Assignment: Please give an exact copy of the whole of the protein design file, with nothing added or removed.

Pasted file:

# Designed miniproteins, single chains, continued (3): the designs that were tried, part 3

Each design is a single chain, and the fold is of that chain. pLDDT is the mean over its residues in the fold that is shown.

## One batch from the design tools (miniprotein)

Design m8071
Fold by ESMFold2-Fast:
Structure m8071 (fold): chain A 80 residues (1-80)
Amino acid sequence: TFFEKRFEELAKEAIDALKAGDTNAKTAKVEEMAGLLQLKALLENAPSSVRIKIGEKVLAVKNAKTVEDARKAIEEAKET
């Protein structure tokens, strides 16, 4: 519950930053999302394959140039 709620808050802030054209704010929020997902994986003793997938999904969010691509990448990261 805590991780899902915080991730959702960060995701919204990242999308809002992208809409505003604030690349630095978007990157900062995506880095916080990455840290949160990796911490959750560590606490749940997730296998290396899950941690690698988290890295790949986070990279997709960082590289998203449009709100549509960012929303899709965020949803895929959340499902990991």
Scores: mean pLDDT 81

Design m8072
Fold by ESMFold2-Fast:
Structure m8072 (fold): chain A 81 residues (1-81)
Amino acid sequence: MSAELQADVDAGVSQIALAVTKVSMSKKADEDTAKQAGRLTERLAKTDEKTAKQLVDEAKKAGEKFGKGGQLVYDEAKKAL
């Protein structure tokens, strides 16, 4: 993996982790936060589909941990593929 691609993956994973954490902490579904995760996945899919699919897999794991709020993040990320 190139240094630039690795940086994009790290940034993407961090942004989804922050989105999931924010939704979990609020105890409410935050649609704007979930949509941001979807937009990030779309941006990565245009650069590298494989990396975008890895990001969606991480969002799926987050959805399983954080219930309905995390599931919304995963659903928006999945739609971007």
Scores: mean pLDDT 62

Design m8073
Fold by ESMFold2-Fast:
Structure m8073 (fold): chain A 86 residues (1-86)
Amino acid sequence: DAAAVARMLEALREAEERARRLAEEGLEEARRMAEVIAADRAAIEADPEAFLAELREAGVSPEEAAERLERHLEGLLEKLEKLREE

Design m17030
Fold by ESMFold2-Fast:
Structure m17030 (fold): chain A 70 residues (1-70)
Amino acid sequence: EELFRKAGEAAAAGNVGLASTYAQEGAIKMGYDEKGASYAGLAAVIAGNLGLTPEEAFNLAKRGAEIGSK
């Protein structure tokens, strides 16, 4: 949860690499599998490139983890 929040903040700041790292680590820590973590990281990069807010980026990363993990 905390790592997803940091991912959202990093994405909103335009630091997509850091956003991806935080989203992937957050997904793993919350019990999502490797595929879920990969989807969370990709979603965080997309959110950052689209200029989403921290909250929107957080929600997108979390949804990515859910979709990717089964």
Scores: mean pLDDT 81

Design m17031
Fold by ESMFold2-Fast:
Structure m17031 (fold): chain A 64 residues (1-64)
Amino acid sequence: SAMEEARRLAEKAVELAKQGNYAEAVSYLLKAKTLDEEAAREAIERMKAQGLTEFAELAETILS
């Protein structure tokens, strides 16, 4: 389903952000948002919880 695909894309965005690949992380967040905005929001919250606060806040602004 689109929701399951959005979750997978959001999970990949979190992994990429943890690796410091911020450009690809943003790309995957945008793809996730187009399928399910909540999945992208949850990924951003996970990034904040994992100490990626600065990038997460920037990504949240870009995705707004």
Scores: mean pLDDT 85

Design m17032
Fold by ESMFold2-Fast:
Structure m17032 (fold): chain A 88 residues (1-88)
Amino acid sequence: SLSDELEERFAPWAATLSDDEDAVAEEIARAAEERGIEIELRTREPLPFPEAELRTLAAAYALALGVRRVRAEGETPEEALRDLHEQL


# Designed miniproteins, single chains, continued (3): the designs that were tried, part 3

Each design is a single chain, and the fold is of that chain. pLDDT is the mean over its residues in the fold that is shown.

## One batch from the design tools (miniprotein)

Design m8071
Fold by ESMFold2-Fast:
Structure m8071 (fold): chain A 80 residues (1-80)
Amino acid sequence: TFFEKRFEELAKEAIDALKAGDTNAKTAKVEEMAGLLQLKALLENAPSSVRIKIGEKVLAVKNAKTVEDARKAIEEAKET
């Protein structure tokens, strides 16, 4: 519950930053999302394959140039 709620808050802030054209704010929020997902994986003793997938999904969010691509990448990261 805590991780899902915080991730959702960060995701919204990242999308809002992208809409505003604030690349630095978007990157900062995506880095916080990455840290949160990796911490959750560590606490749940997730296998290396899950941690690698988290890295790949986070990279997709960082590289998203449009709100549509960012929303899709965020949803895929959340499902990991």
Scores: mean pLDDT 81

Design m8072
Fold by ESMFold2-Fast:
Structure m8072 (fold): chain A 81 residues (1-81)
Amino acid sequence: MSAELQADVDAGVSQIALAVTKVSMSKKADEDTAKQAGRLTERLAKTDEKTAKQLVDEAKKAGEKFGKGGQLVYDEAKKAL
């Protein structure tokens, strides 16, 4: 993996982790936060589909941990593929 691609993956994973954490902490579904995760996945899919699919897999794991709020993040990320 190139240094630039690795940086994009790290940034993407961090942004989804922050989105999931924010939704979990609020105890409410935050649609704007979930949509941001979807937009990030779309941006990565245009650069590298494989990396975008890895990001969606991480969002799926987050959805399983954080219930309905995390599931919304995963659903928006999945739609971007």
Scores: mean pLDDT 62

Design m8073
Fold by ESMFold2-Fast:
Structure m8073 (fold): chain A 86 residues (1-86)
Amino acid sequence: DAAAVARMLEALREAEERARRLAEEGLEEARRMAEVIAADRAAIEADPEAFLAELREAGVSPEEAAERLERHLEGLLEKLEKLREE

Design m17030
Fold by ESMFold2-Fast:
Structure m17030 (fold): chain A 70 residues (1-70)
Amino acid sequence: EELFRKAGEAAAAGNVGLASTYAQEGAIKMGYDEKGASYAGLAAVIAGNLGLTPEEAFNLAKRGAEIGSK
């Protein structure tokens, strides 16, 4: 949860690499599998490139983890 929040903040700041790292680590820590973590990281990069807010980026990363993990 905390790592997803940091991912959202990093994405909103335009630091997509850091956003991806935080989203992937957050997904793993919350019990999502490797595929879920990969989807969370990709979603965080997309959110950052689209200029989403921290909250929107957080929600997108979390949804990515859910979709990717089964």
Scores: mean pLDDT 81

Design m17031
Fold by ESMFold2-Fast:
Structure m17031 (fold): chain A 64 residues (1-64)
Amino acid sequence: SAMEEARRLAEKAVELAKQGNYAEAVSYLLKAKTLDEEAAREAIERMKAQGLTEFAELAETILS
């Protein structure tokens, strides 16, 4: 389903952000948002919880 695909894309965005690949992380967040905005929001919250606060806040602004 689109929701399951959005979750997978959001999970990949979190992994990429943890690796410091911020450009690809943003790309995957945008793809996730187009399928399910909540999945992208949850990924951003996970990034904040994992100490990626600065990038997460920037990504949240870009995705707004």
Scores: mean pLDDT 85

Design m17032
Fold by ESMFold2-Fast:
Structure m17032 (fold): chain A 88 residues (1-88)
Amino acid sequence: SLSDELEERFAPWAATLSDDEDAVAEEIARAAEERGIEIELRTREPLPFPEAELRTLAAAYALALGVRRVRAEGETPEEALRDLHEQL